YouTube recently unveiled an updated “harassment policy” for their website, which aims to reduce the amount of harassment, threats, and “toxic comments” in response to calls for the video sharing platform to take more direct action against these elements.

On December 11th, YouTube’s Vice President and Global Head of Trust & Safety Matt Halprin announced the updated policy in a blog post to the official YouTube blog.

In the post, Halprin explains that YouTube “will not tolerate harassment” and outlines the actions the website will take against specific behavior. These behaviors include:

  • “Threats and personal attacks,” which will be combated by prohibiting “explicit threats, but also veiled or implied threats,” which “includes content simulating violence toward an individual or language suggesting physical violence may occur”
  • Patterns of “harassing behavior,” defined as a “pattern of repeated behavior across multiple videos or comments, even if any individual video doesn’t cross our policy line,” with YouTube stating that “channels that repeatedly brush up against our harassment policy will be suspended from YPP, eliminating their ability to make money on YouTube,” and that the website may “remove content,” issue strikes, or terminate a channel in response.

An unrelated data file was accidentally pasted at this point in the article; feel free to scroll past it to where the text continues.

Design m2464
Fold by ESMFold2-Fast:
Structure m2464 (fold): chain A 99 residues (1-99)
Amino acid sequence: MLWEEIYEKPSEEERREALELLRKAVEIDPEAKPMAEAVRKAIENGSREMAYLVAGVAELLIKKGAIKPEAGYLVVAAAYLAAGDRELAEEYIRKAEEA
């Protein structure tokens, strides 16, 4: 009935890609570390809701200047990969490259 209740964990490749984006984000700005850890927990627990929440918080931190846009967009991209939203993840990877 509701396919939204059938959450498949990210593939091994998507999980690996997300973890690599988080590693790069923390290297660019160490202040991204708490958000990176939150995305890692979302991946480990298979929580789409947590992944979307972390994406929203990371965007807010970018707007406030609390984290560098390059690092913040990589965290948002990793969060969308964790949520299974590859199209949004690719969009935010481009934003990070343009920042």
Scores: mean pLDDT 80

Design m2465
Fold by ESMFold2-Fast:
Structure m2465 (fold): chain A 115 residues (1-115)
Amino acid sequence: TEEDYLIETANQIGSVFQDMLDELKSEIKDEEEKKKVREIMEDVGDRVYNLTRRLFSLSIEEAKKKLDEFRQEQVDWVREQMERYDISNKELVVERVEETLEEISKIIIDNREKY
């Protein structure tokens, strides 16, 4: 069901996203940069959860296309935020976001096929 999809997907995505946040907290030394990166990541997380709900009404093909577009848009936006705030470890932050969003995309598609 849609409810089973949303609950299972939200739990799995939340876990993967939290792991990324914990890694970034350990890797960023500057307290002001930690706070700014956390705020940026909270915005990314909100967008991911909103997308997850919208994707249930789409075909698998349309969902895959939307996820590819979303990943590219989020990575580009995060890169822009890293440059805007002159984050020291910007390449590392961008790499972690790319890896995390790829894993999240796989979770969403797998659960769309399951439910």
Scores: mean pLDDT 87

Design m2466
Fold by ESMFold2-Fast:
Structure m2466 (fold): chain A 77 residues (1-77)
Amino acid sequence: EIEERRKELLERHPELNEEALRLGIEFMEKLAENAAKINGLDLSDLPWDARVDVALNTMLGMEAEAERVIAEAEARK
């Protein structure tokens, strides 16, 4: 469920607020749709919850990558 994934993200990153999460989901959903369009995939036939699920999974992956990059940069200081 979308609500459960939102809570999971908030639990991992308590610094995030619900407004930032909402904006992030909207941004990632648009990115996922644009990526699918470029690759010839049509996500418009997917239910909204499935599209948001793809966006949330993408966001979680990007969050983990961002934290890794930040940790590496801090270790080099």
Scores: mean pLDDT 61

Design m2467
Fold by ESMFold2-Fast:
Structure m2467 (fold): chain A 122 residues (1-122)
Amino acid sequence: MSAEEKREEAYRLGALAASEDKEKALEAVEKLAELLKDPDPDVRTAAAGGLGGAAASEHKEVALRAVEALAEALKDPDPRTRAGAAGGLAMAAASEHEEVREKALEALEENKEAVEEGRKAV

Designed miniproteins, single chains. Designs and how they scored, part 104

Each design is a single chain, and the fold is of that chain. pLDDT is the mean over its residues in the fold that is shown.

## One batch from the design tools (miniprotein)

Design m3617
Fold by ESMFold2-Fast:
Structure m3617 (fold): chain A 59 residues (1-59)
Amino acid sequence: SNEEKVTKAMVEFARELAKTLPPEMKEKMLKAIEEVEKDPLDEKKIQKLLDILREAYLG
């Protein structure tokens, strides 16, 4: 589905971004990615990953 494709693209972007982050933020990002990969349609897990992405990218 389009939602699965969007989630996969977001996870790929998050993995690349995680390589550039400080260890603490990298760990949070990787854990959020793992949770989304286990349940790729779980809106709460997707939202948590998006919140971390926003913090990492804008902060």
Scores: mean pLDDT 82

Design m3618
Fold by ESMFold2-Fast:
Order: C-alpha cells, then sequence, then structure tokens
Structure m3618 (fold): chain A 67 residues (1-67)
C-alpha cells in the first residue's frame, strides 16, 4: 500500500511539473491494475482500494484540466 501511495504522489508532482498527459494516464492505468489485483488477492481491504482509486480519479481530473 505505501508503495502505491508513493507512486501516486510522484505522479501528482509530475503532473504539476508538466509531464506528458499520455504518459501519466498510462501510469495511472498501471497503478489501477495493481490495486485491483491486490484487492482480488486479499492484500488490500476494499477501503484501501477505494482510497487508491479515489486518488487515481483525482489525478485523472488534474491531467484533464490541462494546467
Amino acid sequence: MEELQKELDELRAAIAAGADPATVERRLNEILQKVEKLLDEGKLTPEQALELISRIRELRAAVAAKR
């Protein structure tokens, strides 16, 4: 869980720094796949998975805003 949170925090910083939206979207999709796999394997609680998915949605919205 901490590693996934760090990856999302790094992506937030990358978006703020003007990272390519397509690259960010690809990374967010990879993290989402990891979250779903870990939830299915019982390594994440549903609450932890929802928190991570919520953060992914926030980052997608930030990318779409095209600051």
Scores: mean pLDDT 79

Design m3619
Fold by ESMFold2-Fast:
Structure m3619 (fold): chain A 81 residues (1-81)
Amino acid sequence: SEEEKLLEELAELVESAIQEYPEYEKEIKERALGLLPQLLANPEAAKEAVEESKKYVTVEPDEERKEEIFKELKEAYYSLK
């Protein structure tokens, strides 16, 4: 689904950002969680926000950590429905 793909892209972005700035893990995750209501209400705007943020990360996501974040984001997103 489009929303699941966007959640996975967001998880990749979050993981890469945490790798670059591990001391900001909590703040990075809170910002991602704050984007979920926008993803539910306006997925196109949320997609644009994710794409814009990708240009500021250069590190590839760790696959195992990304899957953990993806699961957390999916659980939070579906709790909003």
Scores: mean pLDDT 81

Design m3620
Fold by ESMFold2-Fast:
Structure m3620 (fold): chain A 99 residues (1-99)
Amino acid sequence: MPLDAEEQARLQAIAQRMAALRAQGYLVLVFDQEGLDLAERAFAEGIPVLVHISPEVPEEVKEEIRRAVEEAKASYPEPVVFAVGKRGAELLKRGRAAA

• “Toxic comments,” with YouTube stating that they’ve “continued to fine tune our systems to make sure we catch truly toxic comments” and will roll out their new feature, which automatically holds “potentially inappropriate comments” for review by the creator who can then choose whether the comment will appear on their video or not, to “most channels by the end of the year.”

These updated policies seem to be a delayed response to the conflict between Carlos Maza and Steven Crowder which engulfed the site earlier in the year, which saw the website promise to make changes in response to Maza’s accusations that Crowder was regularly harassing him on his YouTube show, Louder with Crowder.

Related: YouTube Updates Policies In Response To Conflict Between Vox Journalist Carlos Maza and Conservative Commentator Steven Crowder

However, as with many of YouTube’s policy changes, these updated guidelines have begun to negatively impact creators on the platform due to its vague and widespread definitions. Most notably, YouTube has removed a video critical of the questionable content and practices of YouTuber leafy by fellow YouTuber iDubbz, citing the updated policy as the reason for the removal:

Another popular YouTuber, Eddy Burback, also questioned if it were appropriate for YouTube to retroactively apply these rules to videos made before the policy was updated:

Related: ‘Soph’ Banned From YouTube for Violating “Hate Speech” Policy

Steven Crowder warned these new policies will usher in what he describes as a “YouTube Purge.”

As of writing, YouTube has not responded to creators who have questioned the effects of the updated policy.

  • About The Author

    Spencer Baculi

    Spencer is the Editor for Bounding Into Comics. A life-long anime fan, comic book reader, and video game player, Spencer believes in supporting every claim with evidence and that Ben Reilly is the best version of Spider-Man. He can be found on Twitter @kabutoridermav.